Jim McKay succinctly described the range of emotions inherent in competition in the intro to The Wide World of Sports when he said: “The thrill of victory, and the agony of defeat.” But is this not a microcosm of life? In our lives we experience many highs and lows, and the lessons learned as a participant and fan of athletics can teach us so much about how to demonstrate class, humility, and graciousness in the highs, and grit and perseverance during the lows.
There are many benefits for our mental health to be gained by being involved in sports. As a participant, it teaches us many things. In addition to the obvious benefits to our physical health, it teaches us how to be part of a team. To value others above ourselves. To sacrifice for the common good. In baseball, for example, there is a strategy called a sacrifice. When a batter lays down a sacrifice bunt, he deliberately gives himself up so his teammate can advance into scoring position. When returning to the dugout, he is celebrated with more enthusiasm than if he had gotten a hit himself. Being on a team gives us a sense of belonging, a feeling of connection with others. It provides an authentic opportunity to work together in search of a common goal. One common and practical example is a student enrolling in a new school. By being a member of a team for the new school, she is instantly welcomed into a community where her successes will be celebrated and she will be supported in her struggles. It inflames a sense of loyalty and belonging.
Participating in all sports, even those that are individualistic, builds character in other ways. It teaches us resilience and perseverance. Many common expressions describing those attributes have their origin in sports. For example, the expression “answering the bell,” which means continuing to persevere in the face of adversity, comes from boxing. When returning to one’s corner after getting beat up, a boxer has one minute to rest, after which a bell rings to start the next round. It is difficult to answer that bell, to re engage in a fight that one is losing. But boxers are celebrated for answering that bell, for continuing to battle even in the face of pain. This is true in life, after a difficult day at work or school, it can be hard to even get out of bed the next morning. But that is what we must do, answer the bell.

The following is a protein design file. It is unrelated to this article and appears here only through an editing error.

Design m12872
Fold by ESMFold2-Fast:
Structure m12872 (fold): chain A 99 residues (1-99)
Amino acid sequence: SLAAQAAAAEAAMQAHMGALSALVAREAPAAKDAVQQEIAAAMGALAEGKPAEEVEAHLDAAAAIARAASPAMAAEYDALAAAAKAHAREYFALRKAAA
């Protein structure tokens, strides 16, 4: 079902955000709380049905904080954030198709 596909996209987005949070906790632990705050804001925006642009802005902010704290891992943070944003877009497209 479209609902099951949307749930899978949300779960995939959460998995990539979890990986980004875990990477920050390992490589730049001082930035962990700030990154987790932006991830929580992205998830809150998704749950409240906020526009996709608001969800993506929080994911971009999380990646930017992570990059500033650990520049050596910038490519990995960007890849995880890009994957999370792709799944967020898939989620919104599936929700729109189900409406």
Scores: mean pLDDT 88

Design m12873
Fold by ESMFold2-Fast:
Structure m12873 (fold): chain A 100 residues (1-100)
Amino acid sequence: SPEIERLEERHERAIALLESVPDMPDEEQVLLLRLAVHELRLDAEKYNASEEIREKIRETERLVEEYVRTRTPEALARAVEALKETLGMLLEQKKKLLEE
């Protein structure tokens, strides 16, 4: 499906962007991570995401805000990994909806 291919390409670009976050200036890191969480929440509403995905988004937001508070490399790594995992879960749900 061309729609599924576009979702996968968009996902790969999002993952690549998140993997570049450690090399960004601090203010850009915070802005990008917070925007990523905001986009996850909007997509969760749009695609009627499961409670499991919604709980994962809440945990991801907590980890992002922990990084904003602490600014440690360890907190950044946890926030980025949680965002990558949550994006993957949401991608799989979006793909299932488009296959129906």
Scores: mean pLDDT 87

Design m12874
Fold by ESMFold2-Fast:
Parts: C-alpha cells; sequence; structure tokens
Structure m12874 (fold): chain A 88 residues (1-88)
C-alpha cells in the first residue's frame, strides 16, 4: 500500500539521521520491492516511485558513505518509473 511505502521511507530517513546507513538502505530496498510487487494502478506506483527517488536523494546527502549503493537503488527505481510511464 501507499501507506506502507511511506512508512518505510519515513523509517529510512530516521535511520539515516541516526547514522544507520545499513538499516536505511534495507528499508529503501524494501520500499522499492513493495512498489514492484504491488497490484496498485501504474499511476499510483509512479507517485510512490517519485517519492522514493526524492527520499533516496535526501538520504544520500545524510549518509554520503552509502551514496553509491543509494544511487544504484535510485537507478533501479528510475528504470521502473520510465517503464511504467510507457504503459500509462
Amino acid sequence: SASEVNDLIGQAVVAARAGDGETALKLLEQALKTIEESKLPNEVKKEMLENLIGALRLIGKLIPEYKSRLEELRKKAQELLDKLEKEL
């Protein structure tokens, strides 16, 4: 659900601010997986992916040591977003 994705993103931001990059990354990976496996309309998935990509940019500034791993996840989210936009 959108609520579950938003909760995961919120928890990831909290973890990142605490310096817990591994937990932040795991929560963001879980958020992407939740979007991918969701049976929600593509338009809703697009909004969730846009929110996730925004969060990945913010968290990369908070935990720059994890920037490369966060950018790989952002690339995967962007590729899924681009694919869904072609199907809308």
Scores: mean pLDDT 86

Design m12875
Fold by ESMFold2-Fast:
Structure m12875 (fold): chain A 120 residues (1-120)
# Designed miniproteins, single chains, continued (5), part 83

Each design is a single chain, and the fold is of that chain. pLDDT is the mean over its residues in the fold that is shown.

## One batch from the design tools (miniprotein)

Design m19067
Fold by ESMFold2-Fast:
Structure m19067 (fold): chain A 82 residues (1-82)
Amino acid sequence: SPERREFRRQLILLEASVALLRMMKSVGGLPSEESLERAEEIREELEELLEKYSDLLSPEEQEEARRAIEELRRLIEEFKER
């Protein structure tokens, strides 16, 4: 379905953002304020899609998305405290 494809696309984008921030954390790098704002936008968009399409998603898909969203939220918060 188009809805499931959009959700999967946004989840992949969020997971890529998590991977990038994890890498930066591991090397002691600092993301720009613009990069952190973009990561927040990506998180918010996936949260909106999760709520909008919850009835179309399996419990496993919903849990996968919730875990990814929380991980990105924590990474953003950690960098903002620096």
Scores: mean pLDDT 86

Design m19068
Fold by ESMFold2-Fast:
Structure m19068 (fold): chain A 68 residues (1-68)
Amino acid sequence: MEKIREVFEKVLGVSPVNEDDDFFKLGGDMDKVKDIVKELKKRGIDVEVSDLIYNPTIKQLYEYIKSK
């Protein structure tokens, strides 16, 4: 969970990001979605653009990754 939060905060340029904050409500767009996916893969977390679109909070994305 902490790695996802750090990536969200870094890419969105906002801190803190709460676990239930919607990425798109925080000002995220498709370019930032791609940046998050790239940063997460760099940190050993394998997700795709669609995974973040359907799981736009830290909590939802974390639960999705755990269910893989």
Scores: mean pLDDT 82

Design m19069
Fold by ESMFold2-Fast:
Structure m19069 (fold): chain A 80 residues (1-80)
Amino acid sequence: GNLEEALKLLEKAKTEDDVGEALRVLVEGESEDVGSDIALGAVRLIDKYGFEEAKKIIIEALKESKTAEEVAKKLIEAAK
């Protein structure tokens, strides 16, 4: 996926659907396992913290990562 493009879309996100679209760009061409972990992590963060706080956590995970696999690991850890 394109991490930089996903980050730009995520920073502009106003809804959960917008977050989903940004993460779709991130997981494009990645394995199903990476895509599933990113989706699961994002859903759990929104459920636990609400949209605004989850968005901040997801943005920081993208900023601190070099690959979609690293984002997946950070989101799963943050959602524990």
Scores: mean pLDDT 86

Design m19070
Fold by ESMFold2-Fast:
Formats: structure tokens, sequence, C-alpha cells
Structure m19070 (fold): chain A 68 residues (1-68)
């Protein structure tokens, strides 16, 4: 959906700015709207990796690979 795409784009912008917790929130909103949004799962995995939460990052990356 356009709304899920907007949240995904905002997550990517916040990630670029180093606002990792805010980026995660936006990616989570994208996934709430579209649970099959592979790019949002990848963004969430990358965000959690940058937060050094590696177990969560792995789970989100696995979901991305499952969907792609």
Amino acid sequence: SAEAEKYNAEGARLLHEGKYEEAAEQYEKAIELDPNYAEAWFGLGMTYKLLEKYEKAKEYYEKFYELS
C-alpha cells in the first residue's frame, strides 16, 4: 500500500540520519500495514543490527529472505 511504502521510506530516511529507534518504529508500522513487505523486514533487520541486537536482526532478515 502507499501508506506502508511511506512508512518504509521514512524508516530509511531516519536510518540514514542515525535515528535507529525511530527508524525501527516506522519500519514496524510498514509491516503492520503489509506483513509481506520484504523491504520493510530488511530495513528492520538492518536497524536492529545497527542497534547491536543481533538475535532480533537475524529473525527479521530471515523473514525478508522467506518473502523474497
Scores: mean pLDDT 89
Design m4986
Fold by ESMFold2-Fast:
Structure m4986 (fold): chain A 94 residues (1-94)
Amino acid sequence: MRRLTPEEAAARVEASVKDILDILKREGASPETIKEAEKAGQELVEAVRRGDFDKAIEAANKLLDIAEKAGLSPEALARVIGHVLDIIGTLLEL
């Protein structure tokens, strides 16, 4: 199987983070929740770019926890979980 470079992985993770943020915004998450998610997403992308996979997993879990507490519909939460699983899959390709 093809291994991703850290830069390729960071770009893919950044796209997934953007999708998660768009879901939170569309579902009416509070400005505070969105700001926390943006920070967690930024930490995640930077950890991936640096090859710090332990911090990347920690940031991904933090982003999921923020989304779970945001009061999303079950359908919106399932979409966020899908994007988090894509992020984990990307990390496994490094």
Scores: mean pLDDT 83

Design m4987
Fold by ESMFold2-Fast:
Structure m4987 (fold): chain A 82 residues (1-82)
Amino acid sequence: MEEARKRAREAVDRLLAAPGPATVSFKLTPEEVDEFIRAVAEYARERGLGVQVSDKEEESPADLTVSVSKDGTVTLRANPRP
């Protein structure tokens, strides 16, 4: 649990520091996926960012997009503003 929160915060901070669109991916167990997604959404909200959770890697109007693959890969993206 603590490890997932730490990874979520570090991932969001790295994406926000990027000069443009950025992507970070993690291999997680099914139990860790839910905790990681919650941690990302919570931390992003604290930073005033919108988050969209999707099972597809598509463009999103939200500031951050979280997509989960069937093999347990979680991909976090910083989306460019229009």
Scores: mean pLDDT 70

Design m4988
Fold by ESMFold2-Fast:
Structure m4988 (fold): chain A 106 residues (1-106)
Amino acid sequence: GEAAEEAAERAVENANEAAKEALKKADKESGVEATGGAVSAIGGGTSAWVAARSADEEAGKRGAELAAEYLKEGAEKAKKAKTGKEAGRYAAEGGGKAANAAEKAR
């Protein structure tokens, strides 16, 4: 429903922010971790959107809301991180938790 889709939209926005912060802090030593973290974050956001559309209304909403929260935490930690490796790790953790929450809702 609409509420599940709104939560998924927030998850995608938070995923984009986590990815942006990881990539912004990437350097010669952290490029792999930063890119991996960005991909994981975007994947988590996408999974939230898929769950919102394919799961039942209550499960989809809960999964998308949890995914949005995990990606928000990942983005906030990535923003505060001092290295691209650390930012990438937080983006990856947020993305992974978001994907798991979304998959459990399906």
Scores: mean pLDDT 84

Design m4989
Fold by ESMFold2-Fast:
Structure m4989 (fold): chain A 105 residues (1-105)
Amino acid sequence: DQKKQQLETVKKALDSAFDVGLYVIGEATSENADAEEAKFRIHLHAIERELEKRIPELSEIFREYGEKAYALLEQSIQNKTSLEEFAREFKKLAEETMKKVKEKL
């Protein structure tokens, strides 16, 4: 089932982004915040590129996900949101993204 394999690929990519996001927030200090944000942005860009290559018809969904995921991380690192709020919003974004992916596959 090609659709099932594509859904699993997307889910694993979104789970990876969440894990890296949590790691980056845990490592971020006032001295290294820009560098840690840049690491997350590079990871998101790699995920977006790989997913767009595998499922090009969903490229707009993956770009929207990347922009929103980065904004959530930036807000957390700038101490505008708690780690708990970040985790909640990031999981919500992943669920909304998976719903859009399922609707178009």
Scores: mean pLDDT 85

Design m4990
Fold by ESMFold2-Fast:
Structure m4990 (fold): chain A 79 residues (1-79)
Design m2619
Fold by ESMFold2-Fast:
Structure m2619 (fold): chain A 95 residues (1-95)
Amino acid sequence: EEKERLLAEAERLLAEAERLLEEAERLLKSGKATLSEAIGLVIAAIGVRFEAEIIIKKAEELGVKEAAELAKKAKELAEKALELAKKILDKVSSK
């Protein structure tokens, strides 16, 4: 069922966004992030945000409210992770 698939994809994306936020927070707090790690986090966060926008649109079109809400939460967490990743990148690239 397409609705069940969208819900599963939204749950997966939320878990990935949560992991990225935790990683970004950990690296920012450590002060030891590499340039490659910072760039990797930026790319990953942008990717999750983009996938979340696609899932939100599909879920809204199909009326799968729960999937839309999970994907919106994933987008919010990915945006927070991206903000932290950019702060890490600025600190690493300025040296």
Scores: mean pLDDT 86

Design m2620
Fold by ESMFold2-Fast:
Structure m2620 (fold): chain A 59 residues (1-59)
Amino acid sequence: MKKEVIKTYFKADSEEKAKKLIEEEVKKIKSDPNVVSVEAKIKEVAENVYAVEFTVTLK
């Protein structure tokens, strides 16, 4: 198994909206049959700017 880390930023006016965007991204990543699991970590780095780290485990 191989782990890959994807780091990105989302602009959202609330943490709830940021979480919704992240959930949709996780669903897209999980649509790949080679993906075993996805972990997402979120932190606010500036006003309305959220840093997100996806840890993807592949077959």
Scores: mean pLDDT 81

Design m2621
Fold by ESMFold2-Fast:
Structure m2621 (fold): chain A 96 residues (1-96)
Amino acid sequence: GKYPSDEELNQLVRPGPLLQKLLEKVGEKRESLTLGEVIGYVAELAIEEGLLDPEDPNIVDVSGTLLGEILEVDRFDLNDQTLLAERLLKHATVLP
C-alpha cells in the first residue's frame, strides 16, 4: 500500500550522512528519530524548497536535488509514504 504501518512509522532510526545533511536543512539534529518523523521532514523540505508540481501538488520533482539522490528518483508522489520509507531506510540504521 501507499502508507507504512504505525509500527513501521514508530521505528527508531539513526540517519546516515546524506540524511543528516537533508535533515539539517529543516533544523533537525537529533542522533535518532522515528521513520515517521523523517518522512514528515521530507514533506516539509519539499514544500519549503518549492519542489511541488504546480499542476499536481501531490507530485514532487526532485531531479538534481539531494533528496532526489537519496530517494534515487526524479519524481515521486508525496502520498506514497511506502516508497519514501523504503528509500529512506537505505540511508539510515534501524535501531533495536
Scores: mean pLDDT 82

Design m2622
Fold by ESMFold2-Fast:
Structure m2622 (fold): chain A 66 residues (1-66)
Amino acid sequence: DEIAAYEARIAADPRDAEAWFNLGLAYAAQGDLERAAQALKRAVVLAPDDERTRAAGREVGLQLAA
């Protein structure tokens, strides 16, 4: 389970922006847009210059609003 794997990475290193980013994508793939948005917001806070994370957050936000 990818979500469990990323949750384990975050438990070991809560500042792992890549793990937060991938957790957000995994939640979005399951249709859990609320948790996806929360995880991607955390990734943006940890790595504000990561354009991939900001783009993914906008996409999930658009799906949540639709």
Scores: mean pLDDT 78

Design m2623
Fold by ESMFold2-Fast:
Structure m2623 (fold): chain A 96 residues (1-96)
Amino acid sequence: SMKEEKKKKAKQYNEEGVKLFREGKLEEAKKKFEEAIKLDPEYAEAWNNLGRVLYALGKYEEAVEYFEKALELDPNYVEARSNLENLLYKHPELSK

Sports teach us to respect our opponents. To accept the results of a hard fight. One beautiful tradition in sports is the handshake line at the end of a playoff series in hockey. Even after a hard fought competition, the winners and losers put aside celebration and consolation to pay their respects to one another by shaking hands. We learn empathy, knowing how hard our opponents worked and even in our joy, consoling them in their disappointment. Who can ever forget the little league player, who, after getting hit in the head with a pitch, walked off of first base to console the pitcher who was in tears. Another beautiful moment and lesson to us all.
Even as a fan many of these benefits are evident. Just like a participant on a team, being a fan gives you a sense of community and shared experience. You experience, as Mr. McKay said, the joys of victory and the agonies of defeat, together. You never have to do it alone. Sports fandom brings together schools, communities, cities, even countries. Some of our fondest memories are from going to or watching games with our moms and dads, our brothers and sisters, our sons and daughters.
Sports, as a participant or as a fan, gives us an outlet; a healthy escape from the stresses and anxieties of everyday life. When kept in proper perspective, it can make us better, healthier people and positively affect us physically and emotionally. It helps develop our character and our spirit. The lessons learned through sports can be applied to life, and in many ways, more effectively than anything else.
Sports. There’s nothing like it.